Saving up for retirement is hard work. It can take a lifetime to accumulate a large enough nest egg to live on (see How Much Money Do You Need To Retire), and once you finally do retire, you want to make sure your money never runs out before you pass away. What happens to your savings in retirement depends chiefly on one factor: how your withdrawal rate compares to your investment return.
Now when I say withdrawal rate, I am referring to the withdrawal rate in your first year of retirement, similar to how the 4% rule works. After the first year, I’m assuming that you are withdrawing the same amount (not percentage) to maintain your current lifestyle.
With this is mind, there are essentially only three possible scenarios for the year you retire:
- Your withdrawal rate is less than your investment return.
- Your withdrawal rate is equal to your investment return.
- Your withdrawal rate is greater than your investment return.
This can be summed up in the following graph comparing how retirement savings is affected by withdrawal rate and investment return from retirement at age 65 until age 100.
1. We’ll start with the ideal scenario, when your withdrawal rate is less than your investment return. This means that you are taking less money out than you are making each year, so your savings continue to grow even as you live off of them. You can see this illustrated above as the green line. You’ll notice the exponential curve. Since your investments are still growing each year, that means compounding is still in play. This is the safe scenario for retirement because your savings are not diminishing each year. You don’t have to worry about using up all your money before you go, and you are able to leave the most money behind for your family. In fact, the longer you live, the more money you’ll have to pass on.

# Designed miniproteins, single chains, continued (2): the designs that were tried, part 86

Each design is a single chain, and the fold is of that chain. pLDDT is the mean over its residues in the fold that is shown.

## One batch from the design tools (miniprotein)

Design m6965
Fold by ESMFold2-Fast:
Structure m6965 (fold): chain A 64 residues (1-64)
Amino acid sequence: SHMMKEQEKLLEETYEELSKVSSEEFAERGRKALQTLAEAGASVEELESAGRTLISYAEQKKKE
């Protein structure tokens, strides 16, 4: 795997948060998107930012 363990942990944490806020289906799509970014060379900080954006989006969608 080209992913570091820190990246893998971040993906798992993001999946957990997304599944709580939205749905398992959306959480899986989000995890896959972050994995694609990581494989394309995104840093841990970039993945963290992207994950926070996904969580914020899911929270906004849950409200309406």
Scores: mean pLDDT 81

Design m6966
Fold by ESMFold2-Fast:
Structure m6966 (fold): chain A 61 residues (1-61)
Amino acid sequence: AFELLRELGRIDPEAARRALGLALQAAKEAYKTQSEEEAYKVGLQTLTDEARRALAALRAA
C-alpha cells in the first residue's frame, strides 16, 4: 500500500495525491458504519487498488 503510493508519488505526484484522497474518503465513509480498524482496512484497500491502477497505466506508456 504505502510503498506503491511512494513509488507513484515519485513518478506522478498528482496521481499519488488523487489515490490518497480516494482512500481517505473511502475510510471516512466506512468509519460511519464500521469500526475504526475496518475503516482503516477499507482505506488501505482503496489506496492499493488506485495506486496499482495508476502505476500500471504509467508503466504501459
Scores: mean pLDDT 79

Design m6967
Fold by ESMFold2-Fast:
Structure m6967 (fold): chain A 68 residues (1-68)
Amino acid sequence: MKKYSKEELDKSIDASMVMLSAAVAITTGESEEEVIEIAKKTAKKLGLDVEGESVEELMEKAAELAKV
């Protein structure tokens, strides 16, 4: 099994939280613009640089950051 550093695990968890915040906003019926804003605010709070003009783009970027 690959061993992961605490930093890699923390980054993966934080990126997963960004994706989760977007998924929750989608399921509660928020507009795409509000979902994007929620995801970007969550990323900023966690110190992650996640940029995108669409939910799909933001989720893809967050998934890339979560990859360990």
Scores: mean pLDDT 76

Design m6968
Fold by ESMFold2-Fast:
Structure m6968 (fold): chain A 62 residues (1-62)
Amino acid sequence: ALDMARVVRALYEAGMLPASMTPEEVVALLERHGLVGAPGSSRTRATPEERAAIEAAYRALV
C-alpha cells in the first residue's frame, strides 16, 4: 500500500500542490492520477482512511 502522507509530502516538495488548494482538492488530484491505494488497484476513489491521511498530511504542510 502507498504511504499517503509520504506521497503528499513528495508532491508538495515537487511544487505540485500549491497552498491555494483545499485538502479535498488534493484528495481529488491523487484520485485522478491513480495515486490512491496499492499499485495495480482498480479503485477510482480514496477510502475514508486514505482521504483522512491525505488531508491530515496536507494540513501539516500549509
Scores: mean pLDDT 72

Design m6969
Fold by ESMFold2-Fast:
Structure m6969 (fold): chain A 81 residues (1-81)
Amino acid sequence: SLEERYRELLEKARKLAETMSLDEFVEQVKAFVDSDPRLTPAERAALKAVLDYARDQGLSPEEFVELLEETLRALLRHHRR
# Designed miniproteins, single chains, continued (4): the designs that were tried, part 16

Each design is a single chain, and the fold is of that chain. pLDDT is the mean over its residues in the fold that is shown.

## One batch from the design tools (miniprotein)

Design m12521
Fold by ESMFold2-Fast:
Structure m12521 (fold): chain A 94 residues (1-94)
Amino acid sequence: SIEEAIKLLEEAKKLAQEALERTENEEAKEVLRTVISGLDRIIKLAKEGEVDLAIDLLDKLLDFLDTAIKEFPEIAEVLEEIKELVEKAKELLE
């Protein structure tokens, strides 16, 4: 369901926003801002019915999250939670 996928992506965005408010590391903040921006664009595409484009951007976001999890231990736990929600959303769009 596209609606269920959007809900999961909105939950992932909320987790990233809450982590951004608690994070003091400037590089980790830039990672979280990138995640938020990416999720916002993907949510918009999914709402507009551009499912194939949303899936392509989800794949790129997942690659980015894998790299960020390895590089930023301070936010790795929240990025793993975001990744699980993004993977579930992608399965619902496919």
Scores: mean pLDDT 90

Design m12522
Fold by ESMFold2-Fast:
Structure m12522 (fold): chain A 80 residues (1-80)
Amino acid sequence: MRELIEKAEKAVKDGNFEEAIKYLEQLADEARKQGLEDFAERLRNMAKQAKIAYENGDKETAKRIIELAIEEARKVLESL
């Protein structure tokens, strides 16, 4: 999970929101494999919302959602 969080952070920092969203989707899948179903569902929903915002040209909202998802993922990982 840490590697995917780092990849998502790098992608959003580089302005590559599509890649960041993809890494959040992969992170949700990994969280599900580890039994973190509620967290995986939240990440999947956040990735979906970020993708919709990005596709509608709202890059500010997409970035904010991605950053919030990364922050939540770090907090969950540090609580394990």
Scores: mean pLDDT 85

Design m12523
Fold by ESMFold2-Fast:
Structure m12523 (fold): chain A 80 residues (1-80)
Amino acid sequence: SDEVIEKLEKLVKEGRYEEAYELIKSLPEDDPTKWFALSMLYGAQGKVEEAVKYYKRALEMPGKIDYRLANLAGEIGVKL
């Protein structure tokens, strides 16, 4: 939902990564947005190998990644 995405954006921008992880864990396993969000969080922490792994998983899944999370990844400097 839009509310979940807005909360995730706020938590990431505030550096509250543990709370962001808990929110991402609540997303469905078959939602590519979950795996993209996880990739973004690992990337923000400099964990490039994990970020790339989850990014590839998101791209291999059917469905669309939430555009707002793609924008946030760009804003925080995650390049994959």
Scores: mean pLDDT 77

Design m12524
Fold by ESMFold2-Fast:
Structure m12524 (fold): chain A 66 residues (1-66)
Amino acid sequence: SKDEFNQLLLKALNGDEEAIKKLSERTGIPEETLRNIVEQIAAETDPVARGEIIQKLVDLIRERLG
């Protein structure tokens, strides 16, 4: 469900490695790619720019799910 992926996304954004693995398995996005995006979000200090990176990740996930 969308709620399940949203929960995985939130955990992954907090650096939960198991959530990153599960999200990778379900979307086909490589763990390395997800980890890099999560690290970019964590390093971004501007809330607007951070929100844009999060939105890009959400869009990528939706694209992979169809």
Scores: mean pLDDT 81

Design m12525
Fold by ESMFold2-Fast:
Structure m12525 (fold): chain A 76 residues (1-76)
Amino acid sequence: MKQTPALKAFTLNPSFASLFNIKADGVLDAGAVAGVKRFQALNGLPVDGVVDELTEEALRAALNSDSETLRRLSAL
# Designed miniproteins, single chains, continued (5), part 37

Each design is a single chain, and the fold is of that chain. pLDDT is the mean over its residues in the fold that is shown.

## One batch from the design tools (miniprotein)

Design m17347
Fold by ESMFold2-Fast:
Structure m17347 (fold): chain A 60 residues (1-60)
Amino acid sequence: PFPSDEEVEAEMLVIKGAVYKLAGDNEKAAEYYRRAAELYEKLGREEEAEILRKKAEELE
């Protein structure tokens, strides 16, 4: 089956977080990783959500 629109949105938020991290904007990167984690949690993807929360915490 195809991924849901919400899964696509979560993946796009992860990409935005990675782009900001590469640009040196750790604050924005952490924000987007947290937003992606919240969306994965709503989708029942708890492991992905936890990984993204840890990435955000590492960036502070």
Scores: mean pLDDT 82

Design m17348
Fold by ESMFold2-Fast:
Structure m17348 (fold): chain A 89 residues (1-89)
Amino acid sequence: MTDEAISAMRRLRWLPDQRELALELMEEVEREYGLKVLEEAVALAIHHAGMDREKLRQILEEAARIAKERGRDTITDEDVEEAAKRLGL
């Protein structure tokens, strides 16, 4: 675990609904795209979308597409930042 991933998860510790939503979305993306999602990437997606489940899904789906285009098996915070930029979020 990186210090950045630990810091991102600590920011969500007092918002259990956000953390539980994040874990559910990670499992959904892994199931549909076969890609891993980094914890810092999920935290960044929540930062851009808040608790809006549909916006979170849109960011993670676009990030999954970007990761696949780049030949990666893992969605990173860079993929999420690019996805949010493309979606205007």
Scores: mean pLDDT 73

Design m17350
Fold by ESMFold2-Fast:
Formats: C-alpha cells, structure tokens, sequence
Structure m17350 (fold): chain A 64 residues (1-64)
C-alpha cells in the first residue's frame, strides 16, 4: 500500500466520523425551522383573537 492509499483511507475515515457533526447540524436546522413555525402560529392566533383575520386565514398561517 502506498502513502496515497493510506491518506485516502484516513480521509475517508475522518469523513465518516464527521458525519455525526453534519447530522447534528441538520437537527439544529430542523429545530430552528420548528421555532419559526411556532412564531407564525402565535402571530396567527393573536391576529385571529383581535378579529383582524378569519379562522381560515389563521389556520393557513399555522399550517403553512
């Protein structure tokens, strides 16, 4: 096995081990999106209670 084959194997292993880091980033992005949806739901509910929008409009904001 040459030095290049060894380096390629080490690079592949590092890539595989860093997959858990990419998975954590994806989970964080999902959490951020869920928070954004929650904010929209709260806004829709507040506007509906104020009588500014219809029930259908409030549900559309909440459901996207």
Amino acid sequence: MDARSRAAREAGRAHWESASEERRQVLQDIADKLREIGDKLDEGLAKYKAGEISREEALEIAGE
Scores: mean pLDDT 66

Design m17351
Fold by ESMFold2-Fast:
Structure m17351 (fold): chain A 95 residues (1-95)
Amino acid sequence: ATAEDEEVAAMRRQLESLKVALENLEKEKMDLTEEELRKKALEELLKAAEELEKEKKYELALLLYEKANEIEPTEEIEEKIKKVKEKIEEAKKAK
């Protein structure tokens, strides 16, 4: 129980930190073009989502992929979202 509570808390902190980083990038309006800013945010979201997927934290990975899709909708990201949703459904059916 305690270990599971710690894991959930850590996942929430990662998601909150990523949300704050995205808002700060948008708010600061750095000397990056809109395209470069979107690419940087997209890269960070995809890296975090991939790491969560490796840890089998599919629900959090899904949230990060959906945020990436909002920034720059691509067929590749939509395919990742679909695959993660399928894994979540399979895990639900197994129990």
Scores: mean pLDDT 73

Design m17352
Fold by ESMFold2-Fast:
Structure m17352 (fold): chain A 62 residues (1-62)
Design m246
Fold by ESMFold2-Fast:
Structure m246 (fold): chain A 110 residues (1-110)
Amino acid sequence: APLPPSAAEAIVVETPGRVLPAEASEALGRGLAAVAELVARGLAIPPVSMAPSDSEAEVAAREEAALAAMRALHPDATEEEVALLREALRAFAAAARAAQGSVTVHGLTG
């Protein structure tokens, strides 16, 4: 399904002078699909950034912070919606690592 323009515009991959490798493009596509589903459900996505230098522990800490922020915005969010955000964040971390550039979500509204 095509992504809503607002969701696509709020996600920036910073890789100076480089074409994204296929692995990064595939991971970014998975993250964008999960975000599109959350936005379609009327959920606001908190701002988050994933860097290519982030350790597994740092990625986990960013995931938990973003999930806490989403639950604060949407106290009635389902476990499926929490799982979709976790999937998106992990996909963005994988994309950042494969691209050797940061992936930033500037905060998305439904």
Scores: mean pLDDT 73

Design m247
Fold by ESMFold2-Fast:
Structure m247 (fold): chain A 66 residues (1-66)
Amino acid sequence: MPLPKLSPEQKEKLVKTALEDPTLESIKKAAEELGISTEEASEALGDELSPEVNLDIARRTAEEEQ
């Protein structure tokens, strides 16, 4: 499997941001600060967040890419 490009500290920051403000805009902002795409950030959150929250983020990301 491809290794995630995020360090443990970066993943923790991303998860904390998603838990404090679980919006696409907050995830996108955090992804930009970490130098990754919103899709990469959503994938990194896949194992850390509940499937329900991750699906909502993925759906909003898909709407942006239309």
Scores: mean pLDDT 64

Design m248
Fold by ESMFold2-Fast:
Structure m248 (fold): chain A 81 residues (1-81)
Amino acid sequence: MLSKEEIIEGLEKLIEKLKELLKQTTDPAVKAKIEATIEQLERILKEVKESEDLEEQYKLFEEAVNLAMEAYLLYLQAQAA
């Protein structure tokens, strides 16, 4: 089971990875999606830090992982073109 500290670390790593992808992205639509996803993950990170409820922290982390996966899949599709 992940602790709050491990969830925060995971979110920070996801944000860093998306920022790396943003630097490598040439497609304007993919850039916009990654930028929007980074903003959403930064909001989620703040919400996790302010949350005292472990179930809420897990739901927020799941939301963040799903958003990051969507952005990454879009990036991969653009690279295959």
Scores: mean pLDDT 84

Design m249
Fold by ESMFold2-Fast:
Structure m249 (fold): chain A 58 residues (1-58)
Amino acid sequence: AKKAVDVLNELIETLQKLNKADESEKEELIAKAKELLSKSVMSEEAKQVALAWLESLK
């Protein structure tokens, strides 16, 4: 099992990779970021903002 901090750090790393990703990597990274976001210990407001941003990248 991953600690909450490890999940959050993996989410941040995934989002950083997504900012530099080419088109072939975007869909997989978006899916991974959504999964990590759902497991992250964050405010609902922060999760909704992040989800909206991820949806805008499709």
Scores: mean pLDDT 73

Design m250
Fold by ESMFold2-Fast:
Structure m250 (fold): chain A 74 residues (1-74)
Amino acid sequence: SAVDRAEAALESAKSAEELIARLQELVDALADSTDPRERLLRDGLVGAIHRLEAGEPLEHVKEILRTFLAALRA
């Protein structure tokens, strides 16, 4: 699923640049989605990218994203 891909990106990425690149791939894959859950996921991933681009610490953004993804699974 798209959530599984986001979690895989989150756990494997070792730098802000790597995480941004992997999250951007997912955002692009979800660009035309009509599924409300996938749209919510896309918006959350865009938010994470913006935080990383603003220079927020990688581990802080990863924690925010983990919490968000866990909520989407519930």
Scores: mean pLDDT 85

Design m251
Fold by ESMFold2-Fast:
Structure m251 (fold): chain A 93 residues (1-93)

2. The next scenario, when your withdrawal rate is equal to your investment return, still allows you to retire comfortably knowing your money won’t run out; however, it will not continue to grow, and if the rates are not exactly equal, you could quickly run into problems. In this scenario, you are taking out exactly as much money as your investments will earn each year. You have money to live on, and your savings are stable. The problem with this scenario is that it is practically impossible to achieve. Though your portfolio may average a certain percentage return each year, this is not constant from year to year. Theoretically, I suppose you could keep your savings at the same number each year, only taking out any earnings, but then in a down year, you’d actually have to add money to your savings in order to keep the amount unchanged. It’s simply not practical. Regardless, if you were able to achieve this, your savings would look like the black line in the graph above: flat.
3. The last scenario, when your withdrawal rate is greater than your investment return, is one you do not want to find yourself facing. This occurs when you are withdrawing more money from your savings than you are earning each year, and as you might expect, this results in your savings diminishing quickly, as you can see illustrated by the red line above. This means that they may be relatively stable for a while (depending on how close you are to the second scenario) but then decline rapidly. Before you know it, you’ll be out of money. Now, to be fair, you can certainly retire under these conditions. However, it can be quite risky. If you end up living longer than you expect, you may find yourself with no money left to live on.
Clearly, how your withdrawal rate at retirement compares to your investment returns can make a big difference. If you withdraw too much, you may quickly end up without any savings at all. How can you prevent that from happening? It’s quite simple. Your initial withdrawal from your savings when you retire should be a lower percentage than your anticipated investment returns. To be safe, and because investment returns can vary so much from year to year, your initial withdrawal rate should actually be much lower. That’s why experts generally recommend withdrawing no more than 3-4% in your first year of retirement, even if you’re expecting 9% annual returns. You never know what the future might bring, so it’s better to be safe.